Vesico-vaginal fistula post cold cup bladder biopsy: mini review
Abigail Mawhinney1,*, Ammar Hameed2,*, Ali Thwaini1, Colin Mulholland1
1Belfast City Hospital, Urology Department, Belfast, Northern Ireland, UK; 2Addenbrookes University Hospital, Urology Department, Cambridge, UK
*These authors contributed equally to this paper
Introduction: We report a case of a vesico-vaginal fistula (VVF) post cold cup biopsy; to our knowledge this is the only reported case. We present the clinical history/presentation, investigation and the outcome of the treatment. VVFs are among the most distressing complications of gynecologic and obstetric procedures. The risk of developing a VVF is more than 1% after radical surgery and radiotherapy for malignancies. Management of these fistulas has been better defined and standardized over the last decade.
Methods and results: A case of low grade superficial bladder cancer was treated with multiple resections of bladder tumor and a single installation of mitomycin post initial resection which successfully cleared her bladder cancer, but nevertheless led to a small size and scarred bladder. In addition there was a long history of smoking with its effects on tissue integrity and healing. VVFs are very rare and are an unpleasant outcome post a cold cup biopsy, adding to the psychological and social effects of the surgical treatment.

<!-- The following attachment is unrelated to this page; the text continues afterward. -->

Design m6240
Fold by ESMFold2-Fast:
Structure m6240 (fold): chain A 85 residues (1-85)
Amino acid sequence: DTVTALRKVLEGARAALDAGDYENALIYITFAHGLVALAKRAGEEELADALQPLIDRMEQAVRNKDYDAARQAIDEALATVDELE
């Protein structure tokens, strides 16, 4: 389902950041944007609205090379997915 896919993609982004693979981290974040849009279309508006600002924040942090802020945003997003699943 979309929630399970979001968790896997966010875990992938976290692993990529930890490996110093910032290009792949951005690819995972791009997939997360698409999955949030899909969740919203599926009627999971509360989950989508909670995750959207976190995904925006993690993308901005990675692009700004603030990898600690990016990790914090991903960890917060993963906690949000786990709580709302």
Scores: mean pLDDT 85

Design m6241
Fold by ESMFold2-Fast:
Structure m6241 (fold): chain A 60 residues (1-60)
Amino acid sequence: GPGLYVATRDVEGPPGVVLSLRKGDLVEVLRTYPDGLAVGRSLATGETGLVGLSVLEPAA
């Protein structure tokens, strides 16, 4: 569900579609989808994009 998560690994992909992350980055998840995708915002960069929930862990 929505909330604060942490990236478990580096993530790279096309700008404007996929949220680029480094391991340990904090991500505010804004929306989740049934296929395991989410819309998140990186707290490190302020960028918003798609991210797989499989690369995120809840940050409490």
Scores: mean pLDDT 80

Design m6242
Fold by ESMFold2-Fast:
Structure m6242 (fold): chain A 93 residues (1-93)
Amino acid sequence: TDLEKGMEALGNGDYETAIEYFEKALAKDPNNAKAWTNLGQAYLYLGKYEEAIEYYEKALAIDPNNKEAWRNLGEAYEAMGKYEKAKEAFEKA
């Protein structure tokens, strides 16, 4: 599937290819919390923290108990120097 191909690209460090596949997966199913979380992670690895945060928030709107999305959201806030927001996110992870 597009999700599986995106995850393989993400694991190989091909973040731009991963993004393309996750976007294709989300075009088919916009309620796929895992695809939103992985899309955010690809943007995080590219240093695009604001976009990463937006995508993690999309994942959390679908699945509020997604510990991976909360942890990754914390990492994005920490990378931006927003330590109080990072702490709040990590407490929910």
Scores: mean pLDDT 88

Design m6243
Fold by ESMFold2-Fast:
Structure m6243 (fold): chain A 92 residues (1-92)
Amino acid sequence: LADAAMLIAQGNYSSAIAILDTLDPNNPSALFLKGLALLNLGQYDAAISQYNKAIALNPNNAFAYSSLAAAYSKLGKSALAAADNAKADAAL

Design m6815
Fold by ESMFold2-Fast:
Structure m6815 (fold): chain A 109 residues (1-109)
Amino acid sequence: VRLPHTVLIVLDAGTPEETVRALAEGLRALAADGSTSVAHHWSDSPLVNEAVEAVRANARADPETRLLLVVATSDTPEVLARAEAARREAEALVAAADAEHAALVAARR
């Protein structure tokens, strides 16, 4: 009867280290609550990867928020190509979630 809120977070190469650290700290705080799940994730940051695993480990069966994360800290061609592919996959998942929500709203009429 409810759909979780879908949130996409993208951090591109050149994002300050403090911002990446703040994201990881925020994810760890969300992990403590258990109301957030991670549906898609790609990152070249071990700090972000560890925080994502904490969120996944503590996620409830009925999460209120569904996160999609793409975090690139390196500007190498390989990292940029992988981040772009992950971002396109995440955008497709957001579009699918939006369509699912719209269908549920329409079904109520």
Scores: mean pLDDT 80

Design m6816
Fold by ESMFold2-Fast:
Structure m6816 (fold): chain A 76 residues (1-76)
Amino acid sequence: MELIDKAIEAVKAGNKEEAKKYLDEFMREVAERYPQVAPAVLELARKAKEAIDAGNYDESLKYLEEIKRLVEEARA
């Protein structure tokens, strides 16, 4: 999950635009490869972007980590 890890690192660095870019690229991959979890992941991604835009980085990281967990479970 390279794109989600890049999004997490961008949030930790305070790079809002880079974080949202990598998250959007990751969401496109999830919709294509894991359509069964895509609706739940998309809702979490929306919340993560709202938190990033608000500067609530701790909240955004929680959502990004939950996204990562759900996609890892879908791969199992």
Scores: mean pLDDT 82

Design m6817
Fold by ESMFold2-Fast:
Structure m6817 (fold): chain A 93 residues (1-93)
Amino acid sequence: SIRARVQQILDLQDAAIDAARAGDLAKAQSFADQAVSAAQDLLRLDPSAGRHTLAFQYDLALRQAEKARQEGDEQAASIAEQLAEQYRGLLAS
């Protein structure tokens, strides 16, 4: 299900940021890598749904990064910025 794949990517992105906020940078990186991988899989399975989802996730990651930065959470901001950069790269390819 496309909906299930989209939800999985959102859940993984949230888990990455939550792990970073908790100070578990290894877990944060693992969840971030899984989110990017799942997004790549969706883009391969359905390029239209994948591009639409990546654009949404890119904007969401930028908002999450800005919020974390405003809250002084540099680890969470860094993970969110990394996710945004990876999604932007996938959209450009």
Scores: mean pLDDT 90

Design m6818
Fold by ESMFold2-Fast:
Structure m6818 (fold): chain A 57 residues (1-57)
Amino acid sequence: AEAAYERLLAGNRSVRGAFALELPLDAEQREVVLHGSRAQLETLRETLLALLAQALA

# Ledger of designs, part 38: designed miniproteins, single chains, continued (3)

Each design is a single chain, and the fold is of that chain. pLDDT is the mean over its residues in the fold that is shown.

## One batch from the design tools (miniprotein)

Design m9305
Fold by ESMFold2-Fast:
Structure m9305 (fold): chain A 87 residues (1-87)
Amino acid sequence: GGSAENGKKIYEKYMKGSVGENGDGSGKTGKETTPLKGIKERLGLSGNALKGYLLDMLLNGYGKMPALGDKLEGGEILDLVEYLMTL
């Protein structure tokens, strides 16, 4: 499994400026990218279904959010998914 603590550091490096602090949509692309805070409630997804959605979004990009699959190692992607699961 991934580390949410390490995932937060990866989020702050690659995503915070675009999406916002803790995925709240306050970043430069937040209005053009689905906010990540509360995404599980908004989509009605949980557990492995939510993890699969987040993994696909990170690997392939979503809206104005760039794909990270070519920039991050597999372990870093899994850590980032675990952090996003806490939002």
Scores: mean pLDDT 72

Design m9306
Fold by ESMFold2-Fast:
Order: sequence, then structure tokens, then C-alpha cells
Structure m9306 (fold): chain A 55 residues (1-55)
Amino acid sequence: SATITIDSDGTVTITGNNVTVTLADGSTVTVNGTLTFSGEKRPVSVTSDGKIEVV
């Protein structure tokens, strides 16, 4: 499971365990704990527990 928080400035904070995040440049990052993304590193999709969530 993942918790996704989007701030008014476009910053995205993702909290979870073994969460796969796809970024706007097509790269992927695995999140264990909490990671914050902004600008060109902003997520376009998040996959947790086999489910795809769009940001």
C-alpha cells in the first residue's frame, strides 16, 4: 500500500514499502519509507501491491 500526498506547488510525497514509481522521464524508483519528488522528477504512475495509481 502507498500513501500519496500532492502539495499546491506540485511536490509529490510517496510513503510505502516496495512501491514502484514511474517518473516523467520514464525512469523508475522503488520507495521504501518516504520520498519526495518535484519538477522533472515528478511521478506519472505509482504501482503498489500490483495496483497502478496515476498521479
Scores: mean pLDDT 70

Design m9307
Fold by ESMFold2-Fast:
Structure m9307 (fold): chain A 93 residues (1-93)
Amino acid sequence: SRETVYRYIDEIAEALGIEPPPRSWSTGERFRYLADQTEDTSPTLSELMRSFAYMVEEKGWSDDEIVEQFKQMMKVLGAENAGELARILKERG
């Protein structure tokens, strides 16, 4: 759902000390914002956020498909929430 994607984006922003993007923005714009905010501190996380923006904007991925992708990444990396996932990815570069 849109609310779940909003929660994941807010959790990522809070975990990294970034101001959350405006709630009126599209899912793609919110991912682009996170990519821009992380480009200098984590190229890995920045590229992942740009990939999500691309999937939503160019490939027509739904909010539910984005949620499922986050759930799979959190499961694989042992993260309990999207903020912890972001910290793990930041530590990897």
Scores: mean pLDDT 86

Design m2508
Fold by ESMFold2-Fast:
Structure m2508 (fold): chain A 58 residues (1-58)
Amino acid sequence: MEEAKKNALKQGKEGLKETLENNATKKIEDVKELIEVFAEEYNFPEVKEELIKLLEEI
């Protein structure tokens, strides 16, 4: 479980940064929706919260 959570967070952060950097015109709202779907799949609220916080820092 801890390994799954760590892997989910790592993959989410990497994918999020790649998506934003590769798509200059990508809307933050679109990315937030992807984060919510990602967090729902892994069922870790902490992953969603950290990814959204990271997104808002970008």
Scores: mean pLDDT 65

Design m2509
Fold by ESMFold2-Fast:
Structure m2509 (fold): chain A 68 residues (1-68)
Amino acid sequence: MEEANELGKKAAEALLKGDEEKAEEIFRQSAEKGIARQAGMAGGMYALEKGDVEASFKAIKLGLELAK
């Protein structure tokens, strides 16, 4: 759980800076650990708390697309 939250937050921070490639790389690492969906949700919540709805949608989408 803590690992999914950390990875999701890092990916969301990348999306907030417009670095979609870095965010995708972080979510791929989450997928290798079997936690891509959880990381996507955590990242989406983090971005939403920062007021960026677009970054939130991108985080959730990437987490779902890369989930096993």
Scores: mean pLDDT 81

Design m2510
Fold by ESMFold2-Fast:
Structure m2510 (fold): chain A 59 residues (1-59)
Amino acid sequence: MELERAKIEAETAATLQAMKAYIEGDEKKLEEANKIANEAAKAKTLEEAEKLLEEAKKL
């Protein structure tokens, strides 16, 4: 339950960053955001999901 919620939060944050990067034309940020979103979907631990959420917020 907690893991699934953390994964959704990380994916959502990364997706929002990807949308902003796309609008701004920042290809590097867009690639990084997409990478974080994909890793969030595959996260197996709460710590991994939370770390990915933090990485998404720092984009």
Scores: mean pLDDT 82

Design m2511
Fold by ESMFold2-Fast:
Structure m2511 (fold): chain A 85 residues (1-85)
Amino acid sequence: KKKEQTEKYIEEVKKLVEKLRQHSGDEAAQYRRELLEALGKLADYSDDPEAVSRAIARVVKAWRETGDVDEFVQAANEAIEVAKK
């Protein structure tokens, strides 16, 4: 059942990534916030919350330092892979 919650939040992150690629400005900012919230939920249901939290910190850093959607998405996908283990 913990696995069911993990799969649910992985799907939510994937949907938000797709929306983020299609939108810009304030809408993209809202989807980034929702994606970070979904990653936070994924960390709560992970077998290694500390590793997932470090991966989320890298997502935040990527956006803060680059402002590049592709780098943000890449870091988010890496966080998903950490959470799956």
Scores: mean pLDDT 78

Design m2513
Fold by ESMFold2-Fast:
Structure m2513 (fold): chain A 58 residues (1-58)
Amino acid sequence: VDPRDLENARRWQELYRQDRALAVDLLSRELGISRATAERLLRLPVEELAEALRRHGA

Conclusion: Although cold cup biopsy is a normal day procedure performed by both residents and consultants, consensus should exist on how to treat a patient who has a bladder with defective integrity and small capacity. The rate of successful fistula repair reported in the literature varies between 70% and 100% in nonradiated patients, with similar results when a vaginal or abdominal approach is performed, the mean success rates being 91% and 97%, respectively.
Keywords: vesico-vaginal fistula, vaginal fistula, surgical repair of vaginal fistula, management of vaginal fistula